I would like to fit dimmable LED lights in my new bathroom

Most solutions seem to involve a dimmer switch that chops a high-voltage AC supply, and a driver per light (often integrated into the bulb) that detects this effect and simulates it by flickering or current-limiting the LEDs. I can see this makes sense for retro-fitting into an old circuit, but seems overly complicated when starting from scratch

I'd prefer to have a single 100W transformer; a 12V DC dimmer switch that strobes the output or limits the current; and simple LED spots

  • Does this approach make sense? Does anyone sell this kind of DC dimmer switch?
  • Would I still need "dimmable" LED bulbs? Or would this approach confuse their drivers? Would I be better off with non-dimmable 12V MR16 bulbs?
  • Would the current-limited approach result in some bulbs being bright and others dim (assuming they're wired in series and manufacturing differences cause some to have higher resistance than others)? If using the PWM approach, would the fact that the flickering in now syncronized make it more noticable?

Many thanks for any help!

4 Answers 4


It makes sense - look for "low voltage LED Lighting" to see what's available, or slide on over to Electronics to build your own.

Dimmable LED bulbs are those with drivers built-in that are "dimmable" - if just running controlled current to LEDs, they are all "Dimmable" (lower current, lower light) so, no, you don't want an LED described as "Dimmable" (nor one described as 12V, probably - a "bare" LED with no other parts attached is best when you are going to feed it controlled current.) If you purchase a "12V dimmer" pre-made, follow the dimmer-maker's suggestions on types of LEDs to attach to it.

LEDs are current devices, so controlling the current will give highly consistent light output (controlling the voltage, less so)

  • Thanks @Ecnerwal. Eventual goal is to build my own with a PIR sensor as a night-light and a 10-min fade-in for the morning. Possibly Arduino based. Best to have something off-the-shelf while I'm working on it though. I've found some mentions in marine and camping formus, but surprisingly few in the context of domestic lighting
    – Neil
    Mar 4, 2014 at 15:59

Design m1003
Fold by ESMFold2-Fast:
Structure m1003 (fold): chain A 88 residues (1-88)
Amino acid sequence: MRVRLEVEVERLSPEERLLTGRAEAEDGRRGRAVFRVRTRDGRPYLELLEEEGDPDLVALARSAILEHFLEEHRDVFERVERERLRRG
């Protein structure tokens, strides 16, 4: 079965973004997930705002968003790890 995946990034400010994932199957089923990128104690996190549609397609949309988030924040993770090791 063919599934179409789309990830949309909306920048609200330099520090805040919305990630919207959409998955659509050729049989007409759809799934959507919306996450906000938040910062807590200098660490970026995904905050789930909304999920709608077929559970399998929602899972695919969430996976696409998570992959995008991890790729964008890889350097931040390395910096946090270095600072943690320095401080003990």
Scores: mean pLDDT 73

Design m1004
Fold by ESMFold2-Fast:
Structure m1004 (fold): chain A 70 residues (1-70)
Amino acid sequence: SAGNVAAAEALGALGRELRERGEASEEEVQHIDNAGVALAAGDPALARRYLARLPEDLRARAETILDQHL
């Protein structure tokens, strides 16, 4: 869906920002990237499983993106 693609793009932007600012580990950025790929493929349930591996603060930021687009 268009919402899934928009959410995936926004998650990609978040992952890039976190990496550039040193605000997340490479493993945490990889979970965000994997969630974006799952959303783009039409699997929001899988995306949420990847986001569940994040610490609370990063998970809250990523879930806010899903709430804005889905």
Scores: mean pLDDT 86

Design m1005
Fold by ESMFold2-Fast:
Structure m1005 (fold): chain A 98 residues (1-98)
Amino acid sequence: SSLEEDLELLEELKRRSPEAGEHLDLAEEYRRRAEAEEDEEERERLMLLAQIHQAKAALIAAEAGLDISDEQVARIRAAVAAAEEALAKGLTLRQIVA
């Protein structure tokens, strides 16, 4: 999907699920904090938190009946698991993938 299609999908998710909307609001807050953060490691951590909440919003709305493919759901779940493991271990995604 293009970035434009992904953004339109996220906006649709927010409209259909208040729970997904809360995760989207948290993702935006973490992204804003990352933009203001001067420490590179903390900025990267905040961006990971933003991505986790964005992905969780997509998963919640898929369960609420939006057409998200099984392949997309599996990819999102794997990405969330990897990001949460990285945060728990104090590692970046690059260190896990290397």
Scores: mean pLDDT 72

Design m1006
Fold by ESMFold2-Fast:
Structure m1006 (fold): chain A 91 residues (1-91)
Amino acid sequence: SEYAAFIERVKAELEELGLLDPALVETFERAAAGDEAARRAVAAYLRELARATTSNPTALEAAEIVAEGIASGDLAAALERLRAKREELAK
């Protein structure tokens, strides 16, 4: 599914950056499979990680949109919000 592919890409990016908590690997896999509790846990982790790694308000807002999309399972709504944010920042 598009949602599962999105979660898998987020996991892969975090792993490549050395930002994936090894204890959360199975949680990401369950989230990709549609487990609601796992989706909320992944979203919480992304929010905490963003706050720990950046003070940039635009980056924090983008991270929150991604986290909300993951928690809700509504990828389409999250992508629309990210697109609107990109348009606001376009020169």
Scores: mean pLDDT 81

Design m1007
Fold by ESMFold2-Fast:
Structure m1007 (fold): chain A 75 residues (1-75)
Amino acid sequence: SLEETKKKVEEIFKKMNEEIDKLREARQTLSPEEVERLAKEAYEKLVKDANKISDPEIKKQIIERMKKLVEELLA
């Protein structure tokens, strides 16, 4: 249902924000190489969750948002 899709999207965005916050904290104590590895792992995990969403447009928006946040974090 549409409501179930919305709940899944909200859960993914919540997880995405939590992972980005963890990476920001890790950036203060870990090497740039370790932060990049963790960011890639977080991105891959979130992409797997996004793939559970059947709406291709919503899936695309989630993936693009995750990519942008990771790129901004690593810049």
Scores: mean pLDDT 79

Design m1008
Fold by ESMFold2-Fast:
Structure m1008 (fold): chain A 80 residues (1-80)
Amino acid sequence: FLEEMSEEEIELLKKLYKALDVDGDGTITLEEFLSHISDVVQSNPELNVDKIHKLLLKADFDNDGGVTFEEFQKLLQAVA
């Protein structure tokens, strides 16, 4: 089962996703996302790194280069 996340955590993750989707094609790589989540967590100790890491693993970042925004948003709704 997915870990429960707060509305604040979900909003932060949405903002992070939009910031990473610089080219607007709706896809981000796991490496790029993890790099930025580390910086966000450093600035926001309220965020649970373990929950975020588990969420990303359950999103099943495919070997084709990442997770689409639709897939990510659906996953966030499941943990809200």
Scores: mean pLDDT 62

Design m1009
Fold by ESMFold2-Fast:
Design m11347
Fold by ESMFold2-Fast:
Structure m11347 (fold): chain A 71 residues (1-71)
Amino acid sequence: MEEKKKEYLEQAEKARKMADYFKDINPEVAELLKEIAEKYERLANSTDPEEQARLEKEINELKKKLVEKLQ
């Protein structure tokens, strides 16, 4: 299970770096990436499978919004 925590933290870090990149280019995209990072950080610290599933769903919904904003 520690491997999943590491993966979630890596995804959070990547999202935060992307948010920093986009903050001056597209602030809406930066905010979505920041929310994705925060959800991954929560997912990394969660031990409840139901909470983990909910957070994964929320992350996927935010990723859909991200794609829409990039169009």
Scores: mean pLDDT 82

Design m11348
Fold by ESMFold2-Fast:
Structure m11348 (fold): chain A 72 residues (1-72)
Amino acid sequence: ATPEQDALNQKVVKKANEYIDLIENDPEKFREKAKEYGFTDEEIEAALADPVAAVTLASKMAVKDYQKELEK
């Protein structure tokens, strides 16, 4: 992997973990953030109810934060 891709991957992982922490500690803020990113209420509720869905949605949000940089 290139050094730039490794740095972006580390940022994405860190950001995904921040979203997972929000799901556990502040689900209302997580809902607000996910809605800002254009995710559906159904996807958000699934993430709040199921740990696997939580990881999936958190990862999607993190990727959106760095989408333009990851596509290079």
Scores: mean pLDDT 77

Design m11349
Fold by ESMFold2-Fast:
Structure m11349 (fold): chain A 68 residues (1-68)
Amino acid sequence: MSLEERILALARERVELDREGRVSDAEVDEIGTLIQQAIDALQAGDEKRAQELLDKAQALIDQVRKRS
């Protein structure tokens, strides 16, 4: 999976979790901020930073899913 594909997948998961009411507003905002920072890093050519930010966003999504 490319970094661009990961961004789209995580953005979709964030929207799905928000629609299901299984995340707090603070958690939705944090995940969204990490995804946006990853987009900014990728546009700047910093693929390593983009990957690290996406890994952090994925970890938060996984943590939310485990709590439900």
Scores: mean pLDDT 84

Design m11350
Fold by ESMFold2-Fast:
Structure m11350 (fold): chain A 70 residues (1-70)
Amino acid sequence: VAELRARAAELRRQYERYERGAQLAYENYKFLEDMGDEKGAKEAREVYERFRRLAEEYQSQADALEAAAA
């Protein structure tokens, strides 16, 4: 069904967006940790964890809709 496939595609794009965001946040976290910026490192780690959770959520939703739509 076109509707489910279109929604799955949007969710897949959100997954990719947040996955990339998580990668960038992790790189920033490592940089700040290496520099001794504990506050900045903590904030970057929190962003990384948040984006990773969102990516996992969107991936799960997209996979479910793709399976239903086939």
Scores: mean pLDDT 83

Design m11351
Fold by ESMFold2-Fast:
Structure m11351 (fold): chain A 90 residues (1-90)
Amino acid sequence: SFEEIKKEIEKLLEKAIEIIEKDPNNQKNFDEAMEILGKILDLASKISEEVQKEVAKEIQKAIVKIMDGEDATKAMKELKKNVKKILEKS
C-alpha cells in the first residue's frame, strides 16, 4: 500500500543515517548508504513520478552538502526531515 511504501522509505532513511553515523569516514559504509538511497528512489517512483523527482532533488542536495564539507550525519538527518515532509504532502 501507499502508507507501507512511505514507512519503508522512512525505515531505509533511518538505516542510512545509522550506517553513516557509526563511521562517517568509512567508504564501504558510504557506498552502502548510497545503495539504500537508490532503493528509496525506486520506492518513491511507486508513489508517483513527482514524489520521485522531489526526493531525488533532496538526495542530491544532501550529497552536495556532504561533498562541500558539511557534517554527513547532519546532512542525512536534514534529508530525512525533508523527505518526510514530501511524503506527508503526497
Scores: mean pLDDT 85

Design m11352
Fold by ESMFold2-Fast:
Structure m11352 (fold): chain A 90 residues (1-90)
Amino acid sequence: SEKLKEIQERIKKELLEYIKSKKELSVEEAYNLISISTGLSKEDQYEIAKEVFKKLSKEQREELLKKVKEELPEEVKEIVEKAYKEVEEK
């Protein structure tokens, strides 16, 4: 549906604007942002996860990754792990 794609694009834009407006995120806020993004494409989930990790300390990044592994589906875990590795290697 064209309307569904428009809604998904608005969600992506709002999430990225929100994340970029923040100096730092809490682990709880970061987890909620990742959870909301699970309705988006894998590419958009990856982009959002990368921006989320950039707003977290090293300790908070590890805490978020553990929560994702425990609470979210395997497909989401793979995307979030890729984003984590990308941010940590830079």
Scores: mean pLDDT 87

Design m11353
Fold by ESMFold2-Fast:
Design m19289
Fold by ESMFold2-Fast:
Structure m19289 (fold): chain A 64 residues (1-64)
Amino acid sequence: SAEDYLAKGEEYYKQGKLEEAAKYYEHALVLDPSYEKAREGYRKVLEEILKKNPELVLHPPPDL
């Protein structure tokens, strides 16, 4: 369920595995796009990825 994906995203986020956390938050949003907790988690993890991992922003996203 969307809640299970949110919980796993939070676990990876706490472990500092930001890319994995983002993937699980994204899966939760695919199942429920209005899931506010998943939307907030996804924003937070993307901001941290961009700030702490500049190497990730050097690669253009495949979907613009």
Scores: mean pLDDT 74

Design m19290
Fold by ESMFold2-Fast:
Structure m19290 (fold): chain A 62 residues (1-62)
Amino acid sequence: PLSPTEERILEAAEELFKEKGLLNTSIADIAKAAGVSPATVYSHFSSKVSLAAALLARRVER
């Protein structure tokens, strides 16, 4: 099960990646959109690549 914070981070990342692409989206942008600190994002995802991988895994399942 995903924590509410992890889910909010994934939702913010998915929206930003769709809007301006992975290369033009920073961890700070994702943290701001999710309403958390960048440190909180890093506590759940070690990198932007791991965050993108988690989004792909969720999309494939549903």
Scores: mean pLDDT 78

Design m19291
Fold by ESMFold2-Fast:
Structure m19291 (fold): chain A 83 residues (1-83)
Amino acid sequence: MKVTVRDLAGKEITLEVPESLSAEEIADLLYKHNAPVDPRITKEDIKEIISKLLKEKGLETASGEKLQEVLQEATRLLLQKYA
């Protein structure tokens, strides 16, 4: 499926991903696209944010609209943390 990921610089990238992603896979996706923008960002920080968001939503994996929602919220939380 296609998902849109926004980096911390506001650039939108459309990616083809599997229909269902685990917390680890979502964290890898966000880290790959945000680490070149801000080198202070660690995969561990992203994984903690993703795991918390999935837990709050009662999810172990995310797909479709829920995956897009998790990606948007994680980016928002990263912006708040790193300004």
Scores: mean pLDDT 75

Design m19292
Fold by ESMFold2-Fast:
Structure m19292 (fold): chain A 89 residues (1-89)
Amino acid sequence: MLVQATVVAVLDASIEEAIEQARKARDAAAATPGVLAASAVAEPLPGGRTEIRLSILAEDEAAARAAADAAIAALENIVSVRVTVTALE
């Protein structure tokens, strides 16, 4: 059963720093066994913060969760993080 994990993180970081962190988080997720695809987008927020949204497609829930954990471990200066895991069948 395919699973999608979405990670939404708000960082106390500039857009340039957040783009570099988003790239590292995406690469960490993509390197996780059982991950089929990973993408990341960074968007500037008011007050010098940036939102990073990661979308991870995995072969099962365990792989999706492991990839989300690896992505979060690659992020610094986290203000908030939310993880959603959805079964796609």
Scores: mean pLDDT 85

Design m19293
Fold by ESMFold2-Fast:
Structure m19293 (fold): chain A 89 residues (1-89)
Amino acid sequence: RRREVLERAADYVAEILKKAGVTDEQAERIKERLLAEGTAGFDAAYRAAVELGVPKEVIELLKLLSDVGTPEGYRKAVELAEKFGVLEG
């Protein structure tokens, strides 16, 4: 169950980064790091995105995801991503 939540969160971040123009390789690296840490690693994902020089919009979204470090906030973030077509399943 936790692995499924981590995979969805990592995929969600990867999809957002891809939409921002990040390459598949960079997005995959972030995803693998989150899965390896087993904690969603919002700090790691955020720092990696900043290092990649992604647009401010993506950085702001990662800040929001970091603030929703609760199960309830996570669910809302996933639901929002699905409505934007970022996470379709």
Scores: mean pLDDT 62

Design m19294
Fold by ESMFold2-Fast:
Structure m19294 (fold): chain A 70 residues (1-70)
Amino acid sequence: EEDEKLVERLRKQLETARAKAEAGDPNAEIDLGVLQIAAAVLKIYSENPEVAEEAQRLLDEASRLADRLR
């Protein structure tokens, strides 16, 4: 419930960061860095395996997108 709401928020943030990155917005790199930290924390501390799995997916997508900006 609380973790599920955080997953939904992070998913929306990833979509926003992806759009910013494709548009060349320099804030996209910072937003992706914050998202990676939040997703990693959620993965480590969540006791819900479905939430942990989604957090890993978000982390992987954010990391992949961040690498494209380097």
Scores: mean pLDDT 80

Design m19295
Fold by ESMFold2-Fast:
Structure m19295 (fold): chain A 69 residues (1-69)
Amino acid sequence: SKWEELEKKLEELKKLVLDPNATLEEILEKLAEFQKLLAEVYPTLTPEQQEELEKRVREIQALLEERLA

• In terms of time spent, money spent, and meeting code, being UL listed, etc., it's whole lot quicker & easier to just buy the AC line voltage dimmer and LED fixtures and call it done. I have a pile of fancy LED and driver stuff to play with from a "building electronic things" POV, but I also have 120V AC LED fixtures for getting the job done, some quite affordably, and someone else dealt with the thermal design (the big trick in most LED lights.) So perhaps "either makes sense, depending on your priorities" works better.
    – Ecnerwal
    Mar 4, 2014 at 21:34

enter image description here *Source

What you can use is a repeater connected to your original dimmer source and you can get them in various sizes. These are for RGB, Dimmers or just standard power supply.

Really, there is no such thing as dimmable or non dimmable LED's. The drivers are dimmable or not dimmable, like you mention with th the MR16. But that really depends how they are being dimmed.

LED dimmers work by PWM (Pulse Width MOdulation) instead of increasing or decreasing voltage. So the repeater listed above, recognised the frequencies, and applies them to the out put side with the wattage you need.This is why dimmers are expensive, because they are really micro circuits producing frequencies, instead of just limiting the voltage, which may damage some LED's (maybe this is the loosely coined 'non-dimmable' term we see) allot quicker than usual and causes uneven intensity shadows. But really, any LED can be "dimmed" using PWM.

But you can get something like this, which is fairly decent powered, LED dimming module.

enter image description here


  • S : Goes to the V part of the repeaters or the LED itself (This is the PWM signal)
  • Arrow and Wave - A analog potentiometer, that can be hooked up to any cheap 5USD wall "dimmer" knob. The device senses the analogue level, and produces a relative PWM, which can be adjusted with the dimming level control.
  • L/N - Live Neutral.

Allot of these devices are difficult to find locally and if found locally have various names, and are usually highly overpriced. So always look on the internet before any salesman convincing you that you're paying 100$ for super quality... chinese junk, you can get yourself for 10USD from cheapBay

  • 1
    Interesting. So compared to my setup, this combines the PWM circuitry into the transformer instead of the wall-switch. I can see that makes sense
    – Neil
    Apr 23, 2014 at 16:22

When starting from scratch, I recommend to look at

  1. constant current LED's (350mA, 700mA hi-power), e.g. K3-572-622-70 using a chip from CREE
  2. constant voltage LED's (24V, 12V) ... I'd prefer 24V over 12V because wire resistance is not so critical.

and as a very last resort at "retrofit" products. Even the ones calling themselves "dimmable" are very poor in dimming (large hysteresis, non-uniform behaviour when more bulbs used together)

For 1. and 2. OSRAM and ZUMTOBEL have good transformer and dimmer products, both stand-alone and DALI bus driven


I have now used this approach in my bathroom and can confirm it works very well. The "non-dimmable" bulbs dim perfectly well with no noticeable flicker or colour change. The transformer sometimes makes a high-pitched buzz but this isn't audible when the cupboard is closed. I found two commercially available 12V DC PWM dimmers - a basic one intended for boats/caravans and a very snazzy touch-screen one from China (making my own dimmer switch is a project for a later date)

cbcdesign Dimmer Switch eBay Dimmer switch

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